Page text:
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I’m honored to have photography featured in…

I’m honored to have photography featured in in Edwards Art Gallery at @holdernesstoday through May 28. I worked with my first photography teacher, Franz Nicolay, to curate an eclectic collection of 30 images from my varied travels, running the gamut from Mount #Everest to #Rwanda, snow leopards to elephants, monks to monuments, and more. It was at #Holderness School years ago that I first fell in love with photography as a tool to not simply capture a moment in time, but to also broaden horizons, tell stories, and delve deeper into a given experience, and it’s truly an honor to have my first real exhibit at the school. Hope to see some of you at the opening tomorrow night! | This photo, from my 2013 trip down the #Ganges with @pedromcbride and @davidcmorton, shows the peaks of the Garhwal Himalaya peeking from behind monsoon storm clouds that had just pummeled us with 3 feet of snow. #liveyouradventure

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Last night, I had the opportunity to…

Last night, I had the opportunity to share the story of the Ganges River with the amazing community here at @proctoracademy. It’s a tough story to tell, not so much because of its vast intricacy, detail, and complexity, but more because of its seeming hopelessness. As @pedromcbride, @davidcmorton, and I made our way source to sea in 2013, and later as Pete and I put the film together, we were constantly faced with the bleakness of the subject. As the Ganges weaves its way some 1,600 miles from the Gangotri to Ganga Sagar, it’s assaulted at every turn: she receives an estimated 1 billion liters of untreated, raw sewage per day…a drop in the bucket compared to the unknown quantities of heavy metals, toxic chemicals, and other industrial effluents discharged into the river daily. Ma Ganga is dammed and diverted, harnessed and harassed from her very start to the point where she kisses the sea at the Bay of Bengal, her banks tattered, unique species like the susu – or Ganges River Dolphin – and the golden mahseer are threatened with extinction, and receding glaciers and a rapidly changing climate are constant threats to the river’s very existence. But, despite all that, within the complex weft and warp of the Ganges story, there is hope. It lies in the passions of environmental crusaders like Sunita Narain, who work to figure out Indian-specific solutions to Indian water problems, rather than square-peg-round-holing foreign solutions to fit. Hope lies in the faithful dedication of religious leaders like @pujyaswamiji at @parmarthniketan who, through @gangaaction, are bringing the Hindu community to action on issues facing India’s rivers. And, it lies in heroic moves like that taken 3 weeks ago by the Indian state of Uttarakhand in granting human status to both the Yamuna and Ganges Rivers. But, mostly, my hope lies in the hearts of people like this man, Raj, a humble boat pilot who took us to the sacred confluence of the Ganges, Yamuna, and Saraswati Rivers at Allahabad (Prayag). Raj is not a pundit or politician; he’s but a simple man with a dependence on, and passion and reverence for, the Ganges. [continued below]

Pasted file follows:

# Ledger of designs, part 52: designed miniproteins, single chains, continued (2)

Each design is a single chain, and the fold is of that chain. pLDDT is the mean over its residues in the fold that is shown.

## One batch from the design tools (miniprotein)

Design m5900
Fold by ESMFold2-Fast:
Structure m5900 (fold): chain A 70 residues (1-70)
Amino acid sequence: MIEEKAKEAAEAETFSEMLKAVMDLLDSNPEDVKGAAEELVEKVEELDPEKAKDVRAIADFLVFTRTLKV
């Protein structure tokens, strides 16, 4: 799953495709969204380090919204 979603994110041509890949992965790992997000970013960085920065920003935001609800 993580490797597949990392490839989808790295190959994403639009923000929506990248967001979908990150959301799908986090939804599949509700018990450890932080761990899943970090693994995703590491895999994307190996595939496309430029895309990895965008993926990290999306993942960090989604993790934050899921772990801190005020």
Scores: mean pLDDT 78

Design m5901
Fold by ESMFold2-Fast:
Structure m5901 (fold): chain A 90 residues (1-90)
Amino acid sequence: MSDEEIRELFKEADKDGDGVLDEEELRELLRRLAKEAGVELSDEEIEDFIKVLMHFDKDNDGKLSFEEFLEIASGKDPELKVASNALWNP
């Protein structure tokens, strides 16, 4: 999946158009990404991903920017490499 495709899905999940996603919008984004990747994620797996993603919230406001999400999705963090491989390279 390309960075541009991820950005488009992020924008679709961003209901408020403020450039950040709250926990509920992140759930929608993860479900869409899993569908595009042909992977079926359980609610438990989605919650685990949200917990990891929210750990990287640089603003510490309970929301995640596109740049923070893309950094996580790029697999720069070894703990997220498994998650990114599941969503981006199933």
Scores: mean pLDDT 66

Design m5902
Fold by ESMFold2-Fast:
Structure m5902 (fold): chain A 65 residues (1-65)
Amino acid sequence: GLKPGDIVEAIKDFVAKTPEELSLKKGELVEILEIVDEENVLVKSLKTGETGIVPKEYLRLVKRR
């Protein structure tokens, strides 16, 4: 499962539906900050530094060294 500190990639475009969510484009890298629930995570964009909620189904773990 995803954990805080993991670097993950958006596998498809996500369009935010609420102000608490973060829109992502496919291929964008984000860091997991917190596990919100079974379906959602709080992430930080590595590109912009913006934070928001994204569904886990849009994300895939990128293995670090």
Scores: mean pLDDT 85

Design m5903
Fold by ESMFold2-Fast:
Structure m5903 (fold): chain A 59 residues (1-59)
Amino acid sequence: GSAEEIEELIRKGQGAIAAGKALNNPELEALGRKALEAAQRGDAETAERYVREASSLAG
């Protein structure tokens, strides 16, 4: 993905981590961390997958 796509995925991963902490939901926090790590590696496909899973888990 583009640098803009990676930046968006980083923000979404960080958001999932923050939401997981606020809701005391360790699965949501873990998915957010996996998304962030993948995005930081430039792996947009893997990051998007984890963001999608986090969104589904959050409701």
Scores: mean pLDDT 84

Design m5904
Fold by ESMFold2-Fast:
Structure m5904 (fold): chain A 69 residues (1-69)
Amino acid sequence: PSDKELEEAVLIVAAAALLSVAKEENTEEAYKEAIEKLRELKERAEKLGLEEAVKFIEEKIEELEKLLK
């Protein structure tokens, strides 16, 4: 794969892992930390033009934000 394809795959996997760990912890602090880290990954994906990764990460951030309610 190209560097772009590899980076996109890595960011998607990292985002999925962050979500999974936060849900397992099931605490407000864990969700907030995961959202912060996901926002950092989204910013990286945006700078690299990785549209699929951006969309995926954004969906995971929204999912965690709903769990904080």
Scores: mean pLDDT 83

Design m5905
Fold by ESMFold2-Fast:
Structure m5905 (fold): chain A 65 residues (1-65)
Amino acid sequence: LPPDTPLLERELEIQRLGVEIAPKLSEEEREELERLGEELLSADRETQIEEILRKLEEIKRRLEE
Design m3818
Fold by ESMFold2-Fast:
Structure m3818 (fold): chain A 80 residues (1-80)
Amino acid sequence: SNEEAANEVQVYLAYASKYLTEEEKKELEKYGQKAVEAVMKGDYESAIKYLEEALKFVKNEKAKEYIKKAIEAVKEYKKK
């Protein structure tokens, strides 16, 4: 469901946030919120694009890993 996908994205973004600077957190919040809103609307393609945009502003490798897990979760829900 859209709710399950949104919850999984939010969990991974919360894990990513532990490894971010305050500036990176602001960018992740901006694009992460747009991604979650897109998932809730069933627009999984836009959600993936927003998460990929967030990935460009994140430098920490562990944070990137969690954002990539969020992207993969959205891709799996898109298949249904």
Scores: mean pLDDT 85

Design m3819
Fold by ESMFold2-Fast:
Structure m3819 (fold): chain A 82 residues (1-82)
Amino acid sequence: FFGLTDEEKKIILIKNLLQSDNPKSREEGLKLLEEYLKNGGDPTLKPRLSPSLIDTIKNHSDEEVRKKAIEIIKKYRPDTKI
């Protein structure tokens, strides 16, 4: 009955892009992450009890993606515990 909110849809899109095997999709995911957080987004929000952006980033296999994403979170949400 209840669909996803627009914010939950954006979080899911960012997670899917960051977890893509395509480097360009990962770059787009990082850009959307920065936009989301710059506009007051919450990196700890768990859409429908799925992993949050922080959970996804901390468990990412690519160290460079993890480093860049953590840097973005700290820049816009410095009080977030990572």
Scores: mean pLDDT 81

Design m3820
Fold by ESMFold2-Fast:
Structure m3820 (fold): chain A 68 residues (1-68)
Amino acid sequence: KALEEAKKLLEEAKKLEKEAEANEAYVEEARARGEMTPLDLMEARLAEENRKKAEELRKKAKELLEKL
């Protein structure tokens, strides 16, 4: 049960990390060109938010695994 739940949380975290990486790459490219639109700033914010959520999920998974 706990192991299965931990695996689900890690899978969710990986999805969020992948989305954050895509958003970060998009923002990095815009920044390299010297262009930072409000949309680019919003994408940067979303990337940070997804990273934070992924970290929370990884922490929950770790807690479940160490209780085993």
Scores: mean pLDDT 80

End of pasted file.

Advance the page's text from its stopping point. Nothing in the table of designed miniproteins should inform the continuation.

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Throughout the middle hills of Nepal, the…

Throughout the middle hills of Nepal, the Tamang are one of the dominant ethnic groups. They’re also one of the poorest and most vulnerable groups, as shown by the stats from the 2015 earthquake, when an estimated 1/3 of all deaths and 2/3 of all structure loss was Tamang, while they make up just 5.6% of the national population. Gre, a small village in Rasuwa, is representative of many Tamang villages, with nearly every structure in town crumbling in the earthquake, and almost none having been rebuilt. Yet the people there remain steadfastly optimistic, focused more on getting through today and welcoming tomorrow rather than lamenting the woes of yesterday. | Here, a traditionally-dressed Tamang woman poses for a quick photo in between plowing her potato fields. She wears a traditional Tamang hat and large, plate earrings. #liveyouradventure